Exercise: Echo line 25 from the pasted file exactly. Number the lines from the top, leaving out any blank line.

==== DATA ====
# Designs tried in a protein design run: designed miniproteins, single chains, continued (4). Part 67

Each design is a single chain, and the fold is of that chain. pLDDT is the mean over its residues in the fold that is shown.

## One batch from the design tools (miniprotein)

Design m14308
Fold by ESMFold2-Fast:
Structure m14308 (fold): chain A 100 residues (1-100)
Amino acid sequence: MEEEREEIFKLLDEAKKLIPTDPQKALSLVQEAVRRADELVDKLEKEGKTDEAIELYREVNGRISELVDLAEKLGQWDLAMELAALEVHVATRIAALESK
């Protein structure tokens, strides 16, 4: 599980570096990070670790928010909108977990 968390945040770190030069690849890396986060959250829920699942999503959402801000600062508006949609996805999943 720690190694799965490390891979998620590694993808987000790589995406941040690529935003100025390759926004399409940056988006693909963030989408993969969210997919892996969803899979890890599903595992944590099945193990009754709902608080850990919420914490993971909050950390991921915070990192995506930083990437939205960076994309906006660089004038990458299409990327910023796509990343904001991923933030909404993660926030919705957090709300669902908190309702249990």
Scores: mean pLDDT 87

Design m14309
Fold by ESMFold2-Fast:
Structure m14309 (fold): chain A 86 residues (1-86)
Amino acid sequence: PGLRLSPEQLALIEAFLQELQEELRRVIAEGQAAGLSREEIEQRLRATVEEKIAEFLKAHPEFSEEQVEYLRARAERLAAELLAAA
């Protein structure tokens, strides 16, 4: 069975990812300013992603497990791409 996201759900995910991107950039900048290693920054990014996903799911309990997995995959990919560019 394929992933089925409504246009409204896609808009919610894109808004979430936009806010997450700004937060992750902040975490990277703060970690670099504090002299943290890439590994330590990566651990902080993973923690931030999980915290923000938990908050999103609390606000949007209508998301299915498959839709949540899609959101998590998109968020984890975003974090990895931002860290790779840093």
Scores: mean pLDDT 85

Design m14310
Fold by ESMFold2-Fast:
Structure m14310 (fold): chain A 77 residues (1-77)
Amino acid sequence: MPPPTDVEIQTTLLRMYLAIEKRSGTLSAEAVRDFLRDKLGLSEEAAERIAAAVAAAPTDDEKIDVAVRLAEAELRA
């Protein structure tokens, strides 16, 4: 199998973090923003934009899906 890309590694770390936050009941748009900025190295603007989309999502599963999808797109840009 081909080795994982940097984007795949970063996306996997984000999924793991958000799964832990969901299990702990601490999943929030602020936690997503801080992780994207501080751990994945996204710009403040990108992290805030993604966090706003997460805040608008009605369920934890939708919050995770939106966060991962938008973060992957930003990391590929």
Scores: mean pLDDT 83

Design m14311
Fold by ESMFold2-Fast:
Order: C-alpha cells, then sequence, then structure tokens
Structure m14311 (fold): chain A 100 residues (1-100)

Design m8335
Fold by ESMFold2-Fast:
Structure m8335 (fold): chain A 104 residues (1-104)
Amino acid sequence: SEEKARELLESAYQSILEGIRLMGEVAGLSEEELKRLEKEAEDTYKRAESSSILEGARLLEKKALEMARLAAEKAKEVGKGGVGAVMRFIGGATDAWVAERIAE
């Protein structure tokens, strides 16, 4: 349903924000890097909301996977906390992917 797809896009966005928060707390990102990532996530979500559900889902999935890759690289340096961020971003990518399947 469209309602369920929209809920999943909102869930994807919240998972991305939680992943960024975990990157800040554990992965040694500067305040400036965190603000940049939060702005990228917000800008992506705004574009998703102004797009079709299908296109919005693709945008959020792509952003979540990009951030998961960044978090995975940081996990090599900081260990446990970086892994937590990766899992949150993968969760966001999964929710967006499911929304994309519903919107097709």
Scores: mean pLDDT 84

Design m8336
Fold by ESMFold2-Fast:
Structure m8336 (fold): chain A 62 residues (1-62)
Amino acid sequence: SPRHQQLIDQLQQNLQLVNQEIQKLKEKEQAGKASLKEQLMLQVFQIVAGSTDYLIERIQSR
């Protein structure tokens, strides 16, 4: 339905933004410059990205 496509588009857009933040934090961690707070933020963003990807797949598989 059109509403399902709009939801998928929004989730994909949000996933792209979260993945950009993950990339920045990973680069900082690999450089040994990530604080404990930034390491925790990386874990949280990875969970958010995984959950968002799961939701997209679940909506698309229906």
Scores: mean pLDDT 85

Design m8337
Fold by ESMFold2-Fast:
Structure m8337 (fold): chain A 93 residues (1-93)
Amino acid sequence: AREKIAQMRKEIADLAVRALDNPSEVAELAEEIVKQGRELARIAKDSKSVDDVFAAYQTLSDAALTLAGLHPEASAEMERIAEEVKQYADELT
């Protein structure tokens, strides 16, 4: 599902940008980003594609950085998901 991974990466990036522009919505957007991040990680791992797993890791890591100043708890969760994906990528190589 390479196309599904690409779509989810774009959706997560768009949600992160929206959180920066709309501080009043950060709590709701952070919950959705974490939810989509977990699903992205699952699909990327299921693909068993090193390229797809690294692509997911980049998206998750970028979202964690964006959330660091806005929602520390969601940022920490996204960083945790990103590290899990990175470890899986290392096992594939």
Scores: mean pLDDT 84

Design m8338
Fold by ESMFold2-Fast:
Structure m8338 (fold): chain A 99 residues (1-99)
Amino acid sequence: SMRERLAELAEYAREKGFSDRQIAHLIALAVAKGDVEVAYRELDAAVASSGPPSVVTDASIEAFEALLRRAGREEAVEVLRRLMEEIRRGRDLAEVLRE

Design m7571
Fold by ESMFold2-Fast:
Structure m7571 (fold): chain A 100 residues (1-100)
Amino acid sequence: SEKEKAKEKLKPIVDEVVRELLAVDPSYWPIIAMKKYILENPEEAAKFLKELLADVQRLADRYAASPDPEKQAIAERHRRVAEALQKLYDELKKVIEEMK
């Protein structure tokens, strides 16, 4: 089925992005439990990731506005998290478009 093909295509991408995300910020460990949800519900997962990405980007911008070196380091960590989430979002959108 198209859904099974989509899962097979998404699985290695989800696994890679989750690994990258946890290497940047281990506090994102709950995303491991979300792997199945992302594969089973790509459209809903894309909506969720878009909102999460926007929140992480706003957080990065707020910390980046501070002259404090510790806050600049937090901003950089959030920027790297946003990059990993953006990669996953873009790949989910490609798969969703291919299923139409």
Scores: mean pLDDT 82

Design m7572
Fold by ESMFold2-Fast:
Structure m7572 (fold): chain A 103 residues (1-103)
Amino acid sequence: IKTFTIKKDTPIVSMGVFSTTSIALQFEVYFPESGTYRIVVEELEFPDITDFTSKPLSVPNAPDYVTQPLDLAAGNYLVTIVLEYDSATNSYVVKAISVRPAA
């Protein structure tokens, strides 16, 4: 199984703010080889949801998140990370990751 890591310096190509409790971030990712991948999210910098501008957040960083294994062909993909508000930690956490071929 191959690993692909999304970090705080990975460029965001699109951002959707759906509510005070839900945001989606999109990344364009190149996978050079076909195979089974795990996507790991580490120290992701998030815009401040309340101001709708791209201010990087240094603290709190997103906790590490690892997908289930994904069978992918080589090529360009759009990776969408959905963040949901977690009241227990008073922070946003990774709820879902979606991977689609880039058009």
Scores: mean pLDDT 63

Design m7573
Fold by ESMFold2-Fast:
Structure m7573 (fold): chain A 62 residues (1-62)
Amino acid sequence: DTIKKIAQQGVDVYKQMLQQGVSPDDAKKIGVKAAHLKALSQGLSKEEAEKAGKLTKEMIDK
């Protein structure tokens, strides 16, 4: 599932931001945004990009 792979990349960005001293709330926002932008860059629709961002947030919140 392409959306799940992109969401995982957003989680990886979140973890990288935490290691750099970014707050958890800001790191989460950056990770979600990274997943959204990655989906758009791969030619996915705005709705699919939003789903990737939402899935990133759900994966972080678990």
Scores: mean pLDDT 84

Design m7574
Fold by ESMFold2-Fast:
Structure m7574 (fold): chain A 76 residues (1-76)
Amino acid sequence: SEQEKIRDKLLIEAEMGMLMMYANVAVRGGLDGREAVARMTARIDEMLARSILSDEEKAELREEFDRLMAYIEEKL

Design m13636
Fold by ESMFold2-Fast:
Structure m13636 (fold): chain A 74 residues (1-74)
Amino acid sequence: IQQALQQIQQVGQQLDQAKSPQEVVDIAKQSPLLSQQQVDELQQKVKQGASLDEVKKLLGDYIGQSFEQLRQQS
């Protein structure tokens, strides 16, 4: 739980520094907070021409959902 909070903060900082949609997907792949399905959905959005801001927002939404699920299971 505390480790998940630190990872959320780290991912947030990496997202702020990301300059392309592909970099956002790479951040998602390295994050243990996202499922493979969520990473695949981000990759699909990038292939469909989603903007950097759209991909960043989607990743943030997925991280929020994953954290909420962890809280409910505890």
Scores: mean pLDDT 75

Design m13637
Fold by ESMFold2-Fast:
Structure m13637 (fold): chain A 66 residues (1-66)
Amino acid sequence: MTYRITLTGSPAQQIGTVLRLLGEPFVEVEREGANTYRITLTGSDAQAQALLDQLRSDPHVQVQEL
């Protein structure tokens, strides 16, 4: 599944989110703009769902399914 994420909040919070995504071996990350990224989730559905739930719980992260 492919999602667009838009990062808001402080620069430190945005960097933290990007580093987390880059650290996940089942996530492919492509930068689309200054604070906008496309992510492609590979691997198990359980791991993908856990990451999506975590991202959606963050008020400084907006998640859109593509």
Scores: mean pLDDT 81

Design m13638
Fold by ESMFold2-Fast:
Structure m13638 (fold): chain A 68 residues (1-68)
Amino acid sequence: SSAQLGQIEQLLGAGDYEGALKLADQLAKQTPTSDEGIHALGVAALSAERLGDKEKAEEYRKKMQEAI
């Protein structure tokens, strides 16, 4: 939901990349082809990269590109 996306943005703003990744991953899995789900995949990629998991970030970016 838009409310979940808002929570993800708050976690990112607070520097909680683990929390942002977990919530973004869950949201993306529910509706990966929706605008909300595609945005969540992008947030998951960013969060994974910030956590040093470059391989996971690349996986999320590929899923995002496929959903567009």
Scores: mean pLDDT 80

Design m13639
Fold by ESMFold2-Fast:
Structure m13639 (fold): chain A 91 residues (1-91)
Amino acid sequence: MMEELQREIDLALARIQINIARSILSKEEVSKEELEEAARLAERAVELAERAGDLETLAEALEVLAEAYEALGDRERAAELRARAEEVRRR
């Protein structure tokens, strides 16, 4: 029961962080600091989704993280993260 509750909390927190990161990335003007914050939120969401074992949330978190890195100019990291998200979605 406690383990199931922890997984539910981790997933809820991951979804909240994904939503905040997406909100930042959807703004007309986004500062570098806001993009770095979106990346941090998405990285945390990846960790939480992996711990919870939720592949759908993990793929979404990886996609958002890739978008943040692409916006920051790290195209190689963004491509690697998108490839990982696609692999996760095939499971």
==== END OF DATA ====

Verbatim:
Structure m14311 (fold): chain A 100 residues (1-100)